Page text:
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The Tufts Daily
Where you read it first | Sunday, May 26, 2024

Green Dot trainings are now mandated for student organizations

The new TCU Constitution requires clubs to conduct sexual misconduct prevention training.

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Tufts students and the cannon, painted by Green Dot, are pictured in 2021.

The new Tufts Community Union Constitution, which the Tufts student body voted to ratify last spring, includes a provision that requires all student organizations to receive Green Dot training.  

Green Dot is a student-led group aimed at teaching members of the Tufts community to engage in bystander intervention to both reduce the risks of and proactively prevent sexual misconduct.

According to Alexandra Donovan, the director of the Center for Awareness, Resources, and Education at Tufts, the goal of mandated training is to give the leadership of all TCU-recognized student organizations the skills and resources to incorporate Green Dot risk reduction and prevention strategies into their group’s gatherings, practices and meetings.

For every ten student organization members, one member of the group’s executive board must attend a Green Dot training. Clubs which do not comply become ineligible for TCU membership or recognition.

“[Club] leadership needs to attend this training and then bring Green Dot back to their group,” Donovan said. “Otherwise, they have to prove that it was an agenda item or [that] as a full group they talked about it in some way.”

Along with facilitating mandated training sessions for club leaders, Green Dot also provides drop-in training sessions for any interested students. Primarily, training focuses on what Green Dot calls “The 3 Ds,” a variety of strategies that active bystanders can use in situations that could lead to sexual misconduct. These stand for direct, distract and delegate, meaning that the bystander can engage with the people involved, defuse the situation by means of distraction or find someone better equipped to handle the situation.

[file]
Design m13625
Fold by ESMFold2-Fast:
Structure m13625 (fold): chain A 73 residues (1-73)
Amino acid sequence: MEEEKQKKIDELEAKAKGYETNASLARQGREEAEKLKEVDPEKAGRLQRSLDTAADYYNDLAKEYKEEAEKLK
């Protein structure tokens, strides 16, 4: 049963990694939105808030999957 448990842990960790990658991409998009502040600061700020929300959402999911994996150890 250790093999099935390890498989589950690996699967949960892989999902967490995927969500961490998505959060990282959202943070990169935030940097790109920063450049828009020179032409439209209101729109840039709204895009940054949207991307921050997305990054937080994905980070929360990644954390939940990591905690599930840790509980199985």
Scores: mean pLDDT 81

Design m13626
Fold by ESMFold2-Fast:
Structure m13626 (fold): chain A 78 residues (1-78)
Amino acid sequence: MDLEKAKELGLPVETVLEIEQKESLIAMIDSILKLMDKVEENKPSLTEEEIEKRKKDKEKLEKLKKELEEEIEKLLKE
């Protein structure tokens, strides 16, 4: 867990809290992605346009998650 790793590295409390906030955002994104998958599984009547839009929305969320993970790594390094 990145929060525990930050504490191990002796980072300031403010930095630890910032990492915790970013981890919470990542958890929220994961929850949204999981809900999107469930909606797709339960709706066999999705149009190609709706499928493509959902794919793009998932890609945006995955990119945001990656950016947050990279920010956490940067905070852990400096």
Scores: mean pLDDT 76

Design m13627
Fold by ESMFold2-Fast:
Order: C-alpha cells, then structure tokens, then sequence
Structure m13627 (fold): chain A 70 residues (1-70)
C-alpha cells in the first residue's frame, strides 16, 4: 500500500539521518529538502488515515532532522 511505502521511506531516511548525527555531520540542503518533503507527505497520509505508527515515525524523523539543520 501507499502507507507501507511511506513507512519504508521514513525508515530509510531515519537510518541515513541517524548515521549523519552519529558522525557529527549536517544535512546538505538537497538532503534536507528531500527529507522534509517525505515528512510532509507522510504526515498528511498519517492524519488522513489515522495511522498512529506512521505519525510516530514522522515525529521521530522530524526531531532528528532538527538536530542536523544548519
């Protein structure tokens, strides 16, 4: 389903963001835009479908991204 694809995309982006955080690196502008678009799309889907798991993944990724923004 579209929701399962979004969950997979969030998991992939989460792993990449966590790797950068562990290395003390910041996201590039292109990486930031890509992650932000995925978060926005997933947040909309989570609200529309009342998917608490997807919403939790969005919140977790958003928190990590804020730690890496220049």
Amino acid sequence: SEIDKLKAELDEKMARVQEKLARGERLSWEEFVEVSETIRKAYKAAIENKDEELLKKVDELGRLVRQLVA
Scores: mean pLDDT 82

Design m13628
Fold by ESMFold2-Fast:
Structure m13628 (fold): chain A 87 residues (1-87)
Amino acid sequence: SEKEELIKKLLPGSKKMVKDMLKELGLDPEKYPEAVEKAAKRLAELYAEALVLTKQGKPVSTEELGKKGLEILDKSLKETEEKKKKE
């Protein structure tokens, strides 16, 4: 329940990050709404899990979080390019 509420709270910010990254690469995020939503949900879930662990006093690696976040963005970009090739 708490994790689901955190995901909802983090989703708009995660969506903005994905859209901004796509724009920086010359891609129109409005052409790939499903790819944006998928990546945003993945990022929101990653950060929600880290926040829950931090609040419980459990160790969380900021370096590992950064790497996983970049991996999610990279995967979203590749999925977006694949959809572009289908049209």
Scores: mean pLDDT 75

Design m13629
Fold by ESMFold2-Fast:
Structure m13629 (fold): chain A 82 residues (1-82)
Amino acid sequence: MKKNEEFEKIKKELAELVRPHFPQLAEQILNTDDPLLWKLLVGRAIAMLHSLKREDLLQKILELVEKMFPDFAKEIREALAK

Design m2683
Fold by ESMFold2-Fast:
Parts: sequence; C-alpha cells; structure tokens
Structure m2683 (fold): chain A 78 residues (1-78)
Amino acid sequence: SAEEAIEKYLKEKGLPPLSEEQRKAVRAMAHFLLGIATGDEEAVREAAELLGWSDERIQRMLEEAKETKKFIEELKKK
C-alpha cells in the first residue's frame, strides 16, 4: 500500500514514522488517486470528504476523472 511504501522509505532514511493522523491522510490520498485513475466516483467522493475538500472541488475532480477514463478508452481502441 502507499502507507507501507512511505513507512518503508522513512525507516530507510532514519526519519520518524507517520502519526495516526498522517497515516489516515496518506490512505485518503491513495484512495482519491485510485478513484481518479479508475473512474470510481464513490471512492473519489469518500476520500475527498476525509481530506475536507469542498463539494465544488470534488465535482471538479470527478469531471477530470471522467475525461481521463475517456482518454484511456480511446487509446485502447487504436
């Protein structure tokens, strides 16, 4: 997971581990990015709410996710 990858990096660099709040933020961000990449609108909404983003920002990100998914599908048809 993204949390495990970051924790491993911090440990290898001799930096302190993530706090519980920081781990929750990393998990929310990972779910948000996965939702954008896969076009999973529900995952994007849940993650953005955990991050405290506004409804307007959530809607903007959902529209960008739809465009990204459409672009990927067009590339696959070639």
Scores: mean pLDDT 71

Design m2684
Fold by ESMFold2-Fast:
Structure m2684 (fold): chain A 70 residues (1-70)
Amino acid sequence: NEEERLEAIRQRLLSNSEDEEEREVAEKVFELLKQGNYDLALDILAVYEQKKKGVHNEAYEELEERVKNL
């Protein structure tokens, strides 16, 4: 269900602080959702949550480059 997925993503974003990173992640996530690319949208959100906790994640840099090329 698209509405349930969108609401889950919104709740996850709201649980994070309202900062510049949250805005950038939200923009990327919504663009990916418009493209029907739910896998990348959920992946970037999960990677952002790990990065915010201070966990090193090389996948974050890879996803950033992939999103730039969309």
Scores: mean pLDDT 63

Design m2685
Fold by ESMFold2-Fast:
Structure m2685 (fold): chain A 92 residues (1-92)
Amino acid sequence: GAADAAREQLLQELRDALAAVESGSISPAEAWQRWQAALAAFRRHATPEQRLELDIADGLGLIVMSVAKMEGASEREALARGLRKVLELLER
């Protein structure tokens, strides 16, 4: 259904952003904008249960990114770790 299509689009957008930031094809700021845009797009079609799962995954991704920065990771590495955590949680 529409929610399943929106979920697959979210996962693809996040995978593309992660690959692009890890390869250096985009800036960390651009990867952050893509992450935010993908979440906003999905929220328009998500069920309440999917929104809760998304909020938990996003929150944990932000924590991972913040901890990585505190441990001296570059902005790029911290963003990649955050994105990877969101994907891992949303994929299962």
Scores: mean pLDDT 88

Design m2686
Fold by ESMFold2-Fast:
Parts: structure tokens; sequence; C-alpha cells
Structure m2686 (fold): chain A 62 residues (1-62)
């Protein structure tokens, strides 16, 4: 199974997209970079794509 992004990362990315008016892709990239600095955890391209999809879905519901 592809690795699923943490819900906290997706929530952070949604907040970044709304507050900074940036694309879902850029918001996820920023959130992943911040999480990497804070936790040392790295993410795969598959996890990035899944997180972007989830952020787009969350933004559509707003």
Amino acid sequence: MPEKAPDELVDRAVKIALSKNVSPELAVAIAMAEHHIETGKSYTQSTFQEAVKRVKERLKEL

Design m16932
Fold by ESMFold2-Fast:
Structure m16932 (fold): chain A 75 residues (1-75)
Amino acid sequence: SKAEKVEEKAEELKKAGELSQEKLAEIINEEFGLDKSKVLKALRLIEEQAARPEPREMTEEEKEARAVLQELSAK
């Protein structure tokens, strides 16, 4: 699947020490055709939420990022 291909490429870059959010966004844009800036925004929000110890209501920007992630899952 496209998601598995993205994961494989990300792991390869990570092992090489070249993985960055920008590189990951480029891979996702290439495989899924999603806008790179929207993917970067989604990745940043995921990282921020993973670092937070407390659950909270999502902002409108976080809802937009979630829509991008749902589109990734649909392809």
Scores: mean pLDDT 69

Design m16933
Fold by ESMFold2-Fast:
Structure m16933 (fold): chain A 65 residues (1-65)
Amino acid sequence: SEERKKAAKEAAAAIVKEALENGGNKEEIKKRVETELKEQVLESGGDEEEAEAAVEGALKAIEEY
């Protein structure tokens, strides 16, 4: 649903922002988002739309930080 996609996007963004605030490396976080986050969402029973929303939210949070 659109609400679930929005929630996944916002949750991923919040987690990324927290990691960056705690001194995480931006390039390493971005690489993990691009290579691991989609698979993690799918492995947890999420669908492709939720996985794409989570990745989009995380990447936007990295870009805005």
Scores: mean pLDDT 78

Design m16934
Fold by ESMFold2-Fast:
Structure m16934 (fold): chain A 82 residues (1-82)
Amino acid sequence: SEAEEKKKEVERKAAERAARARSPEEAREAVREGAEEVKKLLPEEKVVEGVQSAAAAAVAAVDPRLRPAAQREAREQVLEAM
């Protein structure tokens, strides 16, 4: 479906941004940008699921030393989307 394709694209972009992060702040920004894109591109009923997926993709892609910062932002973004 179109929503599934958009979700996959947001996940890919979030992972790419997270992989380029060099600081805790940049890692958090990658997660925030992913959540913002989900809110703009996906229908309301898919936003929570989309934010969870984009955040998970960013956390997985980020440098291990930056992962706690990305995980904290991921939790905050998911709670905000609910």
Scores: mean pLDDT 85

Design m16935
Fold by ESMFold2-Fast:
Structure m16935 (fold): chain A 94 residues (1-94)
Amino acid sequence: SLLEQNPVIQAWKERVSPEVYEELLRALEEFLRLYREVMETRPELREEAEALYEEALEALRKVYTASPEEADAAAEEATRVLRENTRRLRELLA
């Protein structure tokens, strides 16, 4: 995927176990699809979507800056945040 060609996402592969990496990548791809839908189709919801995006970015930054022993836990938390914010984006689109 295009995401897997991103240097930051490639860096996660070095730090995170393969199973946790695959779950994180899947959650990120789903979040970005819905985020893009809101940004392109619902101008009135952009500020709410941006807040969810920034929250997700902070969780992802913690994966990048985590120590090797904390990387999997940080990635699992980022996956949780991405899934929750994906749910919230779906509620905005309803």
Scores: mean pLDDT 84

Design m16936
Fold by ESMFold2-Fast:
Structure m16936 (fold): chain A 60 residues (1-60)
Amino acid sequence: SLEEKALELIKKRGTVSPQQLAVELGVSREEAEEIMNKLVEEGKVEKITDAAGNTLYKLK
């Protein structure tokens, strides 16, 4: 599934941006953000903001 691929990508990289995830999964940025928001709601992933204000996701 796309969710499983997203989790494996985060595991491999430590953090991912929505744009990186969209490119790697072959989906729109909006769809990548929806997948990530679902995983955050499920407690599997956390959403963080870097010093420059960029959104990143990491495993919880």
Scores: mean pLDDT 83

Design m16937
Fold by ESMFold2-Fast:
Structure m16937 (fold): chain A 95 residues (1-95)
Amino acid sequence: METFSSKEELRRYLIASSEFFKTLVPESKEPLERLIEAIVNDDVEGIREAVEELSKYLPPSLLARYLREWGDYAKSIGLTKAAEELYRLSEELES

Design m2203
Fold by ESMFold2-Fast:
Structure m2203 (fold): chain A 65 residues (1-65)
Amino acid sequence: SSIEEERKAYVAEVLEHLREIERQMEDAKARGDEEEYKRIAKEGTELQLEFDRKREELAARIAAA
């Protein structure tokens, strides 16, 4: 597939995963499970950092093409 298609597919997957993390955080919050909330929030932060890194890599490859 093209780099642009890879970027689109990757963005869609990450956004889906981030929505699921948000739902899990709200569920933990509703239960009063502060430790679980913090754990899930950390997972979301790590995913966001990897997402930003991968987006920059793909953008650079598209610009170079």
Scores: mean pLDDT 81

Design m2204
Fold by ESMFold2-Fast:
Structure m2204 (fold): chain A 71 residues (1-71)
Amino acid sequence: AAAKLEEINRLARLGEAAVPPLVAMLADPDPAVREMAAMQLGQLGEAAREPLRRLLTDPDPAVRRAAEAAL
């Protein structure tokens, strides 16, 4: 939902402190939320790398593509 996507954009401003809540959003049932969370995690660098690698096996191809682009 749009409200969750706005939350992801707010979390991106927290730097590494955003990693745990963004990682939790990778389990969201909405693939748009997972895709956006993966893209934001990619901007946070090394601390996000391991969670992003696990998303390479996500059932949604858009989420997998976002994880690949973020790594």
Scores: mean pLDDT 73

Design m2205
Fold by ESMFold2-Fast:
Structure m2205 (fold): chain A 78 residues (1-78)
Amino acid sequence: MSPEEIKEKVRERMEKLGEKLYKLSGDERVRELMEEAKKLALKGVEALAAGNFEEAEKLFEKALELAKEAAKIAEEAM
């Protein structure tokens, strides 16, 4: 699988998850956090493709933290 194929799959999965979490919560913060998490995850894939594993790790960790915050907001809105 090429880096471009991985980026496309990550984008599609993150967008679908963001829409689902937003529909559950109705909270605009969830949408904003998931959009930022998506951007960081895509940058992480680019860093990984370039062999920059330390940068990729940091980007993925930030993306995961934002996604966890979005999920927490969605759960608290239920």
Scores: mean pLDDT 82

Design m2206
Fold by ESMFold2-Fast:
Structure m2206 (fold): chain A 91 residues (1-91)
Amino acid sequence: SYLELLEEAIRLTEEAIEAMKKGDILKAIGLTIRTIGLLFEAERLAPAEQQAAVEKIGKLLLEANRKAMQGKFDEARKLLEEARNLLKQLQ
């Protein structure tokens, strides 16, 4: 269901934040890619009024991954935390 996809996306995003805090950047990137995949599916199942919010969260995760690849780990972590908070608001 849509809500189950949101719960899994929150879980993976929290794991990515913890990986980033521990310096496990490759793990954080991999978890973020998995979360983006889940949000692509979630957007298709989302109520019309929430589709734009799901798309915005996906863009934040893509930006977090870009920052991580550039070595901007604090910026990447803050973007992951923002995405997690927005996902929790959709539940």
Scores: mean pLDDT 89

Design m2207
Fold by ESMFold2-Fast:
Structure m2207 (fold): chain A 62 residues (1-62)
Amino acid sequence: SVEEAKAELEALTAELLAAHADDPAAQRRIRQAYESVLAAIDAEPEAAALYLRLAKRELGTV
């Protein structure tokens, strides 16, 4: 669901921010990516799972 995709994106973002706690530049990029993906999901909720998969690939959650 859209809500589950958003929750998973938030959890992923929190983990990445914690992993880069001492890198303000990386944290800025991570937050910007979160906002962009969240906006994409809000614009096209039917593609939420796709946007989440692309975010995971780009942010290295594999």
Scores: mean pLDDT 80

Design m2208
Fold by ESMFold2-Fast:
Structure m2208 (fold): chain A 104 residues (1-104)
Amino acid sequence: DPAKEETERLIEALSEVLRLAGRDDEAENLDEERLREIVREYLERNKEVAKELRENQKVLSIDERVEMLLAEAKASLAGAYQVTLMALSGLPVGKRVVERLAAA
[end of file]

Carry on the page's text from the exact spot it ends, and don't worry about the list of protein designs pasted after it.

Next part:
Hannah Goldberg, a member of the women’s rugby club team, is one of many students who have recently received Green Dot training. At the training, Goldberg said, she learned various ways to intervene in a situation that could lead to sexual misconduct.

“Flicking lights to distract people is a go-to and it’s really easy,” Goldberg said. “If I ever see something … that’s something I would feel comfortable doing.”

Green Dot aims to provide many ways to intervene in situations when someone seems uncomfortable at a social gathering, and gives the trainees options that fit their own comfortability level regardless of the context.

“Green Dot is about giving people choices, so that if you are seeing something, you’ve got some options on how to interrupt it,” Donovan said.

Some clubs, sports teams and Greek organizations often have Green Dot representation at their social gatherings. For example, some gatherings may post the phone number of a Green Dot representative on the wall, which people can text if they feel uncomfortable.

While these trainings give people specific risk reduction tools, they largely focus on how to create a community that focuses on prevention and normalizes intolerance of sexual misconduct. Bijin Basu, a sophomore Green Dot executive, described the importance of the distinction between risk reduction and prevention, which is giving people “a set of tools to be ready with.”

“The idea of prevention is … people are noticing when something is not okay and why [it’s] not okay, and [saying] ‘These are the things I can do,’” Basu said.

Donovan added that a culture of risk prevention is the ultimate goal for the student body.

“One of the areas where people get lost or confused about is that they think prevention is:‘How do I get a cup condom to put over my cup when I’m at a party?’ or ‘How do I get the latest personal alarm system?’ Those aren’t prevention. That’s risk reduction,” Donovan said. “Prevention is focusing on the people that are doing these behaviors.”

Prevention, according to Donovan, is also about how to set up events and ensure that groups know the importance of risk reduction and the harms of sexual misconduct before it ever occurs.

“We want to be creating a culture where this doesn’t happen. If all of us recognize that we have a role, it’s going to move us to a place that’s going to be safer for all of us,” she said.

With the new update to the constitution, Green Dot can reach student populations that it hasn’t before.

“We’ve had two weeks of these TCU trainings going, and 90% of the people that have gone through the TCU mandated trainings have never had a Green Dot training before,” Donovan said.